Because so many of us live near the coast, most people think about heading out on the ocean to go boating, but Brendan Keys prefers to head inland to a fresh water lake - as often as he can. We recently spent some time with him to find out why and where he goes.

Brendan’s passion for boating on freshwater lakes infectiously bubbles up when he talks about his two favourites in the Fraser Valley. This Mission-based enthusiast also happens to be a Boating BC Board member, and General Manager of GA Checkpoint Marine and Watersports. Boating, he says, is a truly Canadian cultural experience.

“I didn’t grow up boating. Even though I’m from a seaside town in Ireland, that only meant sitting on the beach or paddling in the water! It wasn’t until I moved to Canada, and got into the marine business repairing inflatable boats, that I first went out on the water.”


“Boating is a truly Canadian cultural experience.”


And Brendan took to it like the proverbial duck. In fact, it’s a big part of his family life today. He, his wife and three daughters especially love going to Harrison Lake and Stave Lake, near Mission.

Unlike the ocean, he explains, where you have to think about tides and turbulent water, objects in the water, and lots of traffic, these lakes are clean, serene and uncongested – perfect for new boaters, and those wanting to get away from crowds. Although he owns a couple of small watercraft, his pontoon boat is his craft of choice.

“A pontoon is perfect for getting lots of people on the water at the same time. We can cruise comfortably, eat on the boat, and jump into the water to swim. It becomes a gathering place – and the more the merrier!”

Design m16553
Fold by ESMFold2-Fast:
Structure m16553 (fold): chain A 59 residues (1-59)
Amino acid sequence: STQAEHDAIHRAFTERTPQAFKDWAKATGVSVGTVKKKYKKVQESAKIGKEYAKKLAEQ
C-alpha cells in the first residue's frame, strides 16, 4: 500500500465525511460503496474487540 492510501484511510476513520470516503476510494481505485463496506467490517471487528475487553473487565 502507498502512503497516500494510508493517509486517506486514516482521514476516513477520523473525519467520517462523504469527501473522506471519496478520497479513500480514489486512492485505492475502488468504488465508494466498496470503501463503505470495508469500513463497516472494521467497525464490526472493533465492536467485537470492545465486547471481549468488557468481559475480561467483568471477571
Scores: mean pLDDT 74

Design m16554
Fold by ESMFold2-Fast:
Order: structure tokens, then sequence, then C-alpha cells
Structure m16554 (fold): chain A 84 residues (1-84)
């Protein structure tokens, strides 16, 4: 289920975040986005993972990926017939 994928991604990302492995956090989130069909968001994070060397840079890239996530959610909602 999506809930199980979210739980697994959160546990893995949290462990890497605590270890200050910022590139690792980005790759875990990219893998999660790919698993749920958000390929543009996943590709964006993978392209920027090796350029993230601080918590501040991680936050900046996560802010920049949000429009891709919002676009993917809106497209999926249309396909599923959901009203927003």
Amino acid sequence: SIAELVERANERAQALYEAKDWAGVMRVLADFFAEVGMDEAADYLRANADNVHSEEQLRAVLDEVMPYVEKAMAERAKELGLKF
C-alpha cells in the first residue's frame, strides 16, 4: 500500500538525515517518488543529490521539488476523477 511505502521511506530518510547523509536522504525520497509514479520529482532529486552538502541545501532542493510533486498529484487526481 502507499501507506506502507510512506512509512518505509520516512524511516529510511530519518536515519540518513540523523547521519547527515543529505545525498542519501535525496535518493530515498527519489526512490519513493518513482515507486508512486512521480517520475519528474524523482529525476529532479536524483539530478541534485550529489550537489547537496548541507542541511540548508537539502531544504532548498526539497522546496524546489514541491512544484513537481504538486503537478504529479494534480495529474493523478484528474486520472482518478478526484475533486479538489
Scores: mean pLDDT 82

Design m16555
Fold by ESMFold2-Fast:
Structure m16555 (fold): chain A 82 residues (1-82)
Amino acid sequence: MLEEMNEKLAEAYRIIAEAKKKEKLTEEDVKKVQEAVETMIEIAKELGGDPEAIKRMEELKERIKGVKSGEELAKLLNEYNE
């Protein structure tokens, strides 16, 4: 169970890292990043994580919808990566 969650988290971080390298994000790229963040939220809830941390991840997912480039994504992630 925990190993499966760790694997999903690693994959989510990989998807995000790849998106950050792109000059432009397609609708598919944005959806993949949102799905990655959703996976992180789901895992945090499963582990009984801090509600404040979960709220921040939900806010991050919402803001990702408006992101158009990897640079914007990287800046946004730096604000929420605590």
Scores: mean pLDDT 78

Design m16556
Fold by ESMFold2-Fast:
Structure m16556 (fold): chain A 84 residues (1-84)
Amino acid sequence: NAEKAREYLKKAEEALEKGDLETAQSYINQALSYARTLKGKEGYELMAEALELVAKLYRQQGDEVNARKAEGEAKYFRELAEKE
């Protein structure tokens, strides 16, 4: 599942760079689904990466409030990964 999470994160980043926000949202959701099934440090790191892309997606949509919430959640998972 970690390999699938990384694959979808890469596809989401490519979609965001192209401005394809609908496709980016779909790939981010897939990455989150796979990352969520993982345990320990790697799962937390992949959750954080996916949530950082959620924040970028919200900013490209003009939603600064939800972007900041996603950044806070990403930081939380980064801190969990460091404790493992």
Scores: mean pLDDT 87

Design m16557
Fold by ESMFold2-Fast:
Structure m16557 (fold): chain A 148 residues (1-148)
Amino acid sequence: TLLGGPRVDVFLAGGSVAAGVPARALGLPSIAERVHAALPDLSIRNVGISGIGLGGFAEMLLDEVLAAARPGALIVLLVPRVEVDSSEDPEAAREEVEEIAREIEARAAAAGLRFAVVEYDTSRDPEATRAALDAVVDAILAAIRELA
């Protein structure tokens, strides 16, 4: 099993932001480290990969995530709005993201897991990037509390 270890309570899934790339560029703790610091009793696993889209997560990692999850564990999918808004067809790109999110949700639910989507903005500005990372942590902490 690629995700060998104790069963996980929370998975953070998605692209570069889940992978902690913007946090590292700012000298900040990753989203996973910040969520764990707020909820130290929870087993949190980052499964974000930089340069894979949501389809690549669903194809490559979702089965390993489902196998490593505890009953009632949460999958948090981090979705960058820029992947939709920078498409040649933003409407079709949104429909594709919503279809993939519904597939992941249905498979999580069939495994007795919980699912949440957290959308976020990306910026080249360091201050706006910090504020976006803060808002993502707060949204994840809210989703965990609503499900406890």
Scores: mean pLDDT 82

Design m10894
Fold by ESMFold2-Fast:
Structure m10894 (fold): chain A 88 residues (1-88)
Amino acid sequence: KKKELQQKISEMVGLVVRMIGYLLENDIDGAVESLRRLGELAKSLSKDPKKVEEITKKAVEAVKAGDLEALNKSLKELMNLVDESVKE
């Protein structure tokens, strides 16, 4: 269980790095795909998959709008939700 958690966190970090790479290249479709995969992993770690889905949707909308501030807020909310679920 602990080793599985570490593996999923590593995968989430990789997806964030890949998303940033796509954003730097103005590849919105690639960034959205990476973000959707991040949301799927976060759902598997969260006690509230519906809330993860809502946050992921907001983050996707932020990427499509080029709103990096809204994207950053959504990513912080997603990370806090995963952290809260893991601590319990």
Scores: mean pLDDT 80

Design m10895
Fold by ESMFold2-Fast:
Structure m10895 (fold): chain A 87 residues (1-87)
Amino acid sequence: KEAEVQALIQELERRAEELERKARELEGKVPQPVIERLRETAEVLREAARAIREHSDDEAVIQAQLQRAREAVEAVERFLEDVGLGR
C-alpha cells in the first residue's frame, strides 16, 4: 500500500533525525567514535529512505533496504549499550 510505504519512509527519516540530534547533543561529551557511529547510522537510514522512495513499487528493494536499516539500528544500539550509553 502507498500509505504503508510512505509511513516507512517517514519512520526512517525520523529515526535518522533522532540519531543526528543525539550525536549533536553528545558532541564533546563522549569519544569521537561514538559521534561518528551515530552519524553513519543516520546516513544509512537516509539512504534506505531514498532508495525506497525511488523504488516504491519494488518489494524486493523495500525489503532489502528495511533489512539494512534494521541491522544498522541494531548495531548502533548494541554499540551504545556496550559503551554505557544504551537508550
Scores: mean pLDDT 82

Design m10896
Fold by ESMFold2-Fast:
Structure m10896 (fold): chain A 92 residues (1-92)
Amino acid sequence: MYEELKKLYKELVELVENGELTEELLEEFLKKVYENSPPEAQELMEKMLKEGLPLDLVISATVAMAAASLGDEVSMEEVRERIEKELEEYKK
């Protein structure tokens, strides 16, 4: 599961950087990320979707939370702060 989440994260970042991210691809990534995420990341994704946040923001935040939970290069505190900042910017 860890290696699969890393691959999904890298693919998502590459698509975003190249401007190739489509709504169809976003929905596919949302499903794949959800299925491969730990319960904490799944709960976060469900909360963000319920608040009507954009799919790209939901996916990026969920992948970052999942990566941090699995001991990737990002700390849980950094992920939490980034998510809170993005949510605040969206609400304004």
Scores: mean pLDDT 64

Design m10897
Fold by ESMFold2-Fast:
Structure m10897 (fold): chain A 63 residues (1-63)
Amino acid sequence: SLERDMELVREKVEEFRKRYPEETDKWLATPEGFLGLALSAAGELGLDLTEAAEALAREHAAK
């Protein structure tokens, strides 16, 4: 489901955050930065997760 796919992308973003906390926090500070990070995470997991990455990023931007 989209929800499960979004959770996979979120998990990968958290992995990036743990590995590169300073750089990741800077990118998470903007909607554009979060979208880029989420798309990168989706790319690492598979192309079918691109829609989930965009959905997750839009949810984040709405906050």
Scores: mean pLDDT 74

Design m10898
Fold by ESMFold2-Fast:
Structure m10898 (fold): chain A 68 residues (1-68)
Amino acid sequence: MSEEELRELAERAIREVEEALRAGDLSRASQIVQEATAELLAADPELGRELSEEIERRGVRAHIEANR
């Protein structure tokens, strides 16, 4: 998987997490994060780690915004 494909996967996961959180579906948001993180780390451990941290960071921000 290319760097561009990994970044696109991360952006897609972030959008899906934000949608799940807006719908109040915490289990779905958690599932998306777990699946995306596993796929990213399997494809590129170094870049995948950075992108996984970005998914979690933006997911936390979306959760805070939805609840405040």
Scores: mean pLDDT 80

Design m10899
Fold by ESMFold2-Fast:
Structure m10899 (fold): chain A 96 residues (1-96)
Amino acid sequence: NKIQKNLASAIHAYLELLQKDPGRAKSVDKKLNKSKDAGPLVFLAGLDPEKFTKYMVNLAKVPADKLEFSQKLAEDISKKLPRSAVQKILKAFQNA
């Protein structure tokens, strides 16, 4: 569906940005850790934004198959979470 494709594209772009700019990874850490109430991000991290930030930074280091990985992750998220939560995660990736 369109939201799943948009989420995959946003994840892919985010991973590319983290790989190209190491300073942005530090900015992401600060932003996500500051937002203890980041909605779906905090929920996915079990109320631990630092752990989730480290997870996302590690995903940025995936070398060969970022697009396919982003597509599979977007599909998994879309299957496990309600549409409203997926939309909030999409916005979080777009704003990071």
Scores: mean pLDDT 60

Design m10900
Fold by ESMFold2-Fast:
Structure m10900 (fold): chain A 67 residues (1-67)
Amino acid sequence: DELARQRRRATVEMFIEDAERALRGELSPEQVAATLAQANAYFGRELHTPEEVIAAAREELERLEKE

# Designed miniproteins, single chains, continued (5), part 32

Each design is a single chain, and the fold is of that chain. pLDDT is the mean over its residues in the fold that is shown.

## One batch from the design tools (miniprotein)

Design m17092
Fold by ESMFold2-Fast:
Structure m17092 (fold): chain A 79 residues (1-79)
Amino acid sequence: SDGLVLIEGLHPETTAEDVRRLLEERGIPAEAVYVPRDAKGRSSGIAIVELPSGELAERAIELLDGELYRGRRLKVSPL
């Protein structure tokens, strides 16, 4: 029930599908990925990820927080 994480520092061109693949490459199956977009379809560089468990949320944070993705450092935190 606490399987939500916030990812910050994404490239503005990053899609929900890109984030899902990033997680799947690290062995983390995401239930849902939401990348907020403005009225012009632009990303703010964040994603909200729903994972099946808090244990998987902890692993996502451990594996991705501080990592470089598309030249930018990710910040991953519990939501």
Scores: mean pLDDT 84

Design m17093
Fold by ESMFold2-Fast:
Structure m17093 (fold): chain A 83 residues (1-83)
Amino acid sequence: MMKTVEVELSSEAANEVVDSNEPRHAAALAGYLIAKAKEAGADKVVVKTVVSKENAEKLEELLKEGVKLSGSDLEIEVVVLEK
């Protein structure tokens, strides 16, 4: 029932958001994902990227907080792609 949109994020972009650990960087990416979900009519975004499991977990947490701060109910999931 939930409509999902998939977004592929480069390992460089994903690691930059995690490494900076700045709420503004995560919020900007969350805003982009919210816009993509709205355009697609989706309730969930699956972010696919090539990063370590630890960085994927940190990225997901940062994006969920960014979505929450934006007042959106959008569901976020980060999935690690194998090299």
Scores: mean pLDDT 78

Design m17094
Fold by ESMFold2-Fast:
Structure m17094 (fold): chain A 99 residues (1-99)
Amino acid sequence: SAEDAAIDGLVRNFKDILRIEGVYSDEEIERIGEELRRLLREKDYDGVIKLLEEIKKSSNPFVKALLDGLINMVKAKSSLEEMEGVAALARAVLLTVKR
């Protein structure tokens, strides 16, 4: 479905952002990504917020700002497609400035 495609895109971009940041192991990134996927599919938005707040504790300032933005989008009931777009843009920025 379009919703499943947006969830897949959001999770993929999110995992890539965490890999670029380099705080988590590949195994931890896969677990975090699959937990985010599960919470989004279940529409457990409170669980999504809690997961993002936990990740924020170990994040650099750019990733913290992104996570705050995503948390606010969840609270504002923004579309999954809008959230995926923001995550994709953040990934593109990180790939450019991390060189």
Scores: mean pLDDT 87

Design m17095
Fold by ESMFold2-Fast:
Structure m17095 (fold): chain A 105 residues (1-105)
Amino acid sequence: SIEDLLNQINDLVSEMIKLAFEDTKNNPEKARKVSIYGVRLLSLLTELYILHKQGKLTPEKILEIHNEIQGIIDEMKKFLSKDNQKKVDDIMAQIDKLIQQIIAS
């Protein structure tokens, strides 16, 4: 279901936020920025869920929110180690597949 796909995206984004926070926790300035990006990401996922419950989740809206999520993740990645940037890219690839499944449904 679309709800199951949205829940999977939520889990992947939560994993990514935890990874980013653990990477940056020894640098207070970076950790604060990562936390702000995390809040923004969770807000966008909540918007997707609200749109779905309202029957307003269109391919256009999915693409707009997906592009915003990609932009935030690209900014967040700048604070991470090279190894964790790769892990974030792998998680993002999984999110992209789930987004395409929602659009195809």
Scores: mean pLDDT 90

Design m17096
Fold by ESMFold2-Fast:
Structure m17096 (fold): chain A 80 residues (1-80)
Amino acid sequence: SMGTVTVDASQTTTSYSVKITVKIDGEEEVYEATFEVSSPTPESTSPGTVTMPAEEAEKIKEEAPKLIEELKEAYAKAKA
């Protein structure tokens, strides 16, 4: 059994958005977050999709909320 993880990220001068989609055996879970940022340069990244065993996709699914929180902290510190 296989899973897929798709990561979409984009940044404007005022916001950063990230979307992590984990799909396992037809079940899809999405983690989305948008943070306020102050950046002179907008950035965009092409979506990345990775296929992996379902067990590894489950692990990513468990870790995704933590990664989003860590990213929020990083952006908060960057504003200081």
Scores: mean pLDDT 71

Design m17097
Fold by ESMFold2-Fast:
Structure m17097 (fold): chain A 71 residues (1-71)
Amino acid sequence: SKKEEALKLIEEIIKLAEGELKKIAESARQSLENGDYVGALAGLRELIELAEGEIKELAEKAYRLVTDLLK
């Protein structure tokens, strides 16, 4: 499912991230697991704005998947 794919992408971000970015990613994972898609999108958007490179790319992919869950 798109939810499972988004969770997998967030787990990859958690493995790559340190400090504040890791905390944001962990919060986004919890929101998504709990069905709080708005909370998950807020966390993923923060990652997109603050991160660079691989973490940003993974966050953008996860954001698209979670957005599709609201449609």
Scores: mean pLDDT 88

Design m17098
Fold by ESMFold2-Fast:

Just an hour from downtown Vancouver, the “beautiful, hidden gem” of Stave Lake – created in 1921 when BC Hydro dammed the Stave River – is a perfect boating day trip. Accessed by Dewdney Trunk Road, it’s well sheltered by surrounding high mountains, with clear channel markers to direct you out of the river into the lake. Perfect for small craft of all kinds – motor and human powered.

“The best thing”, says Brendan, “is that there are very few people on the water – in fact, you’d be lucky to see another boat on the upper part of the lake. When I spend the evening up there – after four to five hours – it’s like I’ve had two weeks off. “

Harrison Lake – wide, deep and 77 miles long – is ideal for power boating, sailing, windsurfing and paddle boarding; canoeing and kayaking. Two easy access points are east of the village of Harrison Hot Springs, and in Sasquatch Park at Green Point. Favourite destinations include beautiful Rainbow Falls on the east side in Cascade Bay, and Long Island on the west side, a favourite secluded camping spot complete with swing, BBQ pit and outhouse. According to Brendan, this is the perfect weekend getaway with lots of cool little beaches, where you can just drop anchor and camp – ideally with lots of friends in tow.

“Boating is about social time – not about how fast you go. It’s about being on the water, and who’s with you. When we cruise to the end of the lake with a BBQ on board and some music, and watch the sun go down… well, it doesn’t get better than that.